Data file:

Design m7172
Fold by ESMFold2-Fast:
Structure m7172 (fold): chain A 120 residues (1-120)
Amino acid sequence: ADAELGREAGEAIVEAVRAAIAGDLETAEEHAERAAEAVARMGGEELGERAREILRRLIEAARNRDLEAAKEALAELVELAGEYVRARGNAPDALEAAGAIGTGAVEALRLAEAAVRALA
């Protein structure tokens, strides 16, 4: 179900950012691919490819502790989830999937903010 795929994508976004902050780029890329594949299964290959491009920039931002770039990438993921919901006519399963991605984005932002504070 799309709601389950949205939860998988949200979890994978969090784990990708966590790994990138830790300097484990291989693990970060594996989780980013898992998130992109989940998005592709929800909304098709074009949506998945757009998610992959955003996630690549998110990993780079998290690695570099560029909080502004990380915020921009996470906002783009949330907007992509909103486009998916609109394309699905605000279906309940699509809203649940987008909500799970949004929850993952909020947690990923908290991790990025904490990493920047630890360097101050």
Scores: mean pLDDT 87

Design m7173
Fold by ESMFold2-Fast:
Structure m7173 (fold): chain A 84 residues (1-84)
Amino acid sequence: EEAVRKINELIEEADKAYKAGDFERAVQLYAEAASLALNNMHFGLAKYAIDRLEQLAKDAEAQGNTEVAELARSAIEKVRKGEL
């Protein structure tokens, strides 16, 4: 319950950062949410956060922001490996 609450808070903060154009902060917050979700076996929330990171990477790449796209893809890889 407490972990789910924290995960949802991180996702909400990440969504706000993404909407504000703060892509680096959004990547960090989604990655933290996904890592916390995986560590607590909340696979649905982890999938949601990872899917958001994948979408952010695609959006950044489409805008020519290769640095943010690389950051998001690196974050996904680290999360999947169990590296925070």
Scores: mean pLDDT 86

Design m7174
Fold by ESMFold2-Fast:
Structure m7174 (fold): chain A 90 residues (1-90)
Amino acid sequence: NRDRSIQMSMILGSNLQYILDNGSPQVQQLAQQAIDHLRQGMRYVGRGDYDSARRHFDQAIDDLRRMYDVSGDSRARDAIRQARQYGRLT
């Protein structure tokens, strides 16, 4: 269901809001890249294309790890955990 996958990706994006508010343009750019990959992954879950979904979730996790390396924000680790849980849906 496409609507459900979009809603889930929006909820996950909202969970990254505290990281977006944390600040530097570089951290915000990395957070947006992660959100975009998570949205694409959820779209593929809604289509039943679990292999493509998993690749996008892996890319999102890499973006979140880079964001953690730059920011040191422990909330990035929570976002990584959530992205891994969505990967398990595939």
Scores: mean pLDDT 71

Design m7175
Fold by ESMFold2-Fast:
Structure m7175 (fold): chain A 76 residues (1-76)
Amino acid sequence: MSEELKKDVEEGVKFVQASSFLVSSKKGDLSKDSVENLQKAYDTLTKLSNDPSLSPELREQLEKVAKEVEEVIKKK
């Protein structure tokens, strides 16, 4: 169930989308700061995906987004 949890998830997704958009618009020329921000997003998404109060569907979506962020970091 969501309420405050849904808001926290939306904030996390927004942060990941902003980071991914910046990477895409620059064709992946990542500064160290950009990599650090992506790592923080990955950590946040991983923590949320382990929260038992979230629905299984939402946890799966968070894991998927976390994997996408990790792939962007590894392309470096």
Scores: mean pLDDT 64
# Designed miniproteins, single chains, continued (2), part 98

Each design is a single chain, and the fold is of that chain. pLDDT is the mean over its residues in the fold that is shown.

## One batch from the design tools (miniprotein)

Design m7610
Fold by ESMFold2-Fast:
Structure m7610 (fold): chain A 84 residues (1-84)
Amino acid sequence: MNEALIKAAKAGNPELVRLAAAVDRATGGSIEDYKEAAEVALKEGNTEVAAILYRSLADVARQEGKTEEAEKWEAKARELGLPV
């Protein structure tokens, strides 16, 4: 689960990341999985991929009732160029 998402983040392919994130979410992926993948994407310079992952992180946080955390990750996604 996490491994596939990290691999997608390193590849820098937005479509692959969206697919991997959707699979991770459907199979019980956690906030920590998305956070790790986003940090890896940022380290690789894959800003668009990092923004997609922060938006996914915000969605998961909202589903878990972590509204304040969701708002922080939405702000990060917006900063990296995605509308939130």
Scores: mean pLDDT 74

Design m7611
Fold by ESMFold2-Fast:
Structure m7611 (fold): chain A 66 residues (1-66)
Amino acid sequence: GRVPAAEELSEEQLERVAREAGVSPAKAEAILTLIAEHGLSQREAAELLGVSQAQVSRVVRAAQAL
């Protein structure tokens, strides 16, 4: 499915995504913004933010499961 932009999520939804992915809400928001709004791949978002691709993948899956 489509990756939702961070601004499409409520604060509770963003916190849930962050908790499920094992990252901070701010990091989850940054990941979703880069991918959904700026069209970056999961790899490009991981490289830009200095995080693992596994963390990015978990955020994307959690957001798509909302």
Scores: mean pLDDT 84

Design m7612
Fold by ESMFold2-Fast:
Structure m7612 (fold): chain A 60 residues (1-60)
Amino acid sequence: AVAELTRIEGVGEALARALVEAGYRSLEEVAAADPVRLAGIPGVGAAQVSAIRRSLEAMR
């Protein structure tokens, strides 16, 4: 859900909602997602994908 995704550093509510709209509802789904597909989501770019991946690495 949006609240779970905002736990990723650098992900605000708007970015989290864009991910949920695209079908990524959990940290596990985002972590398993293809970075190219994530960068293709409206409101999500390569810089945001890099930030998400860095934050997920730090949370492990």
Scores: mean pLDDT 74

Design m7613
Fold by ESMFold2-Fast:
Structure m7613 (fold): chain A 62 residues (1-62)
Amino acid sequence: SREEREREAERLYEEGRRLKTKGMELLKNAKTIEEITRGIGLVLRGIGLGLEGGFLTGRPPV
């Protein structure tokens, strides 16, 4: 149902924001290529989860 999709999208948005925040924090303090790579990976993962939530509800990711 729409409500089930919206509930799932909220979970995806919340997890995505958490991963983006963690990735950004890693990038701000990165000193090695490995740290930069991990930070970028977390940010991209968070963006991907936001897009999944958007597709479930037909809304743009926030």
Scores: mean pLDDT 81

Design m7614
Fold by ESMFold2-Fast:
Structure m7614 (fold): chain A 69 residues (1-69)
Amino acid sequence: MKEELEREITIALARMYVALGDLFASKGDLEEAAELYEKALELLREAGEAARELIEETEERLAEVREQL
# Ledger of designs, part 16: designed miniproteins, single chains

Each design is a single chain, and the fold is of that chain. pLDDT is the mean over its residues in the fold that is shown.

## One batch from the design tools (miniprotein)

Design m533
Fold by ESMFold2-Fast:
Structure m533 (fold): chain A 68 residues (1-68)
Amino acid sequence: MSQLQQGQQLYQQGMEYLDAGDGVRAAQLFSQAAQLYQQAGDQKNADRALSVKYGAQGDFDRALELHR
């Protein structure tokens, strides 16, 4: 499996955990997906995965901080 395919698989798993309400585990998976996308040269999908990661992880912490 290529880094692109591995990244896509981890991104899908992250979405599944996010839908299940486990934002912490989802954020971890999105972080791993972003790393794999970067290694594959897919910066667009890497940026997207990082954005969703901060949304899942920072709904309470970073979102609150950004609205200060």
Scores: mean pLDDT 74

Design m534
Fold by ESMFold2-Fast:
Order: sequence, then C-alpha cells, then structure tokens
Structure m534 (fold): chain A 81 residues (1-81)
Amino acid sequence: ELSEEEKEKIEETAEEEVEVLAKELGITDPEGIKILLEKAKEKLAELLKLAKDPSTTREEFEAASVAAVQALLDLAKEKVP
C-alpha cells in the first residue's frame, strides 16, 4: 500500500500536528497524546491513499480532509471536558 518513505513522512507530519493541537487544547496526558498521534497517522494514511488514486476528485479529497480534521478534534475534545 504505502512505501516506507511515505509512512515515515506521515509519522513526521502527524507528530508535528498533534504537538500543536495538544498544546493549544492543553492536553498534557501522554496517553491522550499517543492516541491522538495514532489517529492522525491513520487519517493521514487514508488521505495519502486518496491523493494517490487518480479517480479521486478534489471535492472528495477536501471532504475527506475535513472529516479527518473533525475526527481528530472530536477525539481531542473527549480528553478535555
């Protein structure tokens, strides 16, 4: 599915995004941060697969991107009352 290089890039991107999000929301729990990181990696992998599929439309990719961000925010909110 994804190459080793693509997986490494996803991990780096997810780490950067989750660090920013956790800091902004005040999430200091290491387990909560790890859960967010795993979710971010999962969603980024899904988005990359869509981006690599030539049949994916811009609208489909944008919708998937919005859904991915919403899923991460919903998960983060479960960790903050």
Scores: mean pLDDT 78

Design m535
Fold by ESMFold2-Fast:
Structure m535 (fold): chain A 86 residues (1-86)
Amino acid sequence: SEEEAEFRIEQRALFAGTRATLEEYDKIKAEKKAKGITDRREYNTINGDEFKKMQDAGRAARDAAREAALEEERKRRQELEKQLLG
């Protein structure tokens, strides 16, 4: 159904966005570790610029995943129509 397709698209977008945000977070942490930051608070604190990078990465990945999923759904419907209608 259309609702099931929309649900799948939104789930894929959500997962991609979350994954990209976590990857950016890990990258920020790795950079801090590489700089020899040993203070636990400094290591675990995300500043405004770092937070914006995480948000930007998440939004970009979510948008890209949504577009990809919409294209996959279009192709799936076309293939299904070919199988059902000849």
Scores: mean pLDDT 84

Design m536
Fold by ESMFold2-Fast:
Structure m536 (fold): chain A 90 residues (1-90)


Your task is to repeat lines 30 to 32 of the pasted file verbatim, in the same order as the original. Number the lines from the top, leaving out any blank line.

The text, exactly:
Structure m7610 (fold): chain A 84 residues (1-84)
Amino acid sequence: MNEALIKAAKAGNPELVRLAAAVDRATGGSIEDYKEAAEVALKEGNTEVAAILYRSLADVARQEGKTEEAEKWEAKARELGLPV
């Protein structure tokens, strides 16, 4: 689960990341999985991929009732160029 998402983040392919994130979410992926993948994407310079992952992180946080955390990750996604 996490491994596939990290691999997608390193590849820098937005479509692959969206697919991997959707699979991770459907199979019980956690906030920590998305956070790790986003940090890896940022380290690789894959800003668009990092923004997609922060938006996914915000969605998961909202589903878990972590509204304040969701708002922080939405702000990060917006900063990296995605509308939130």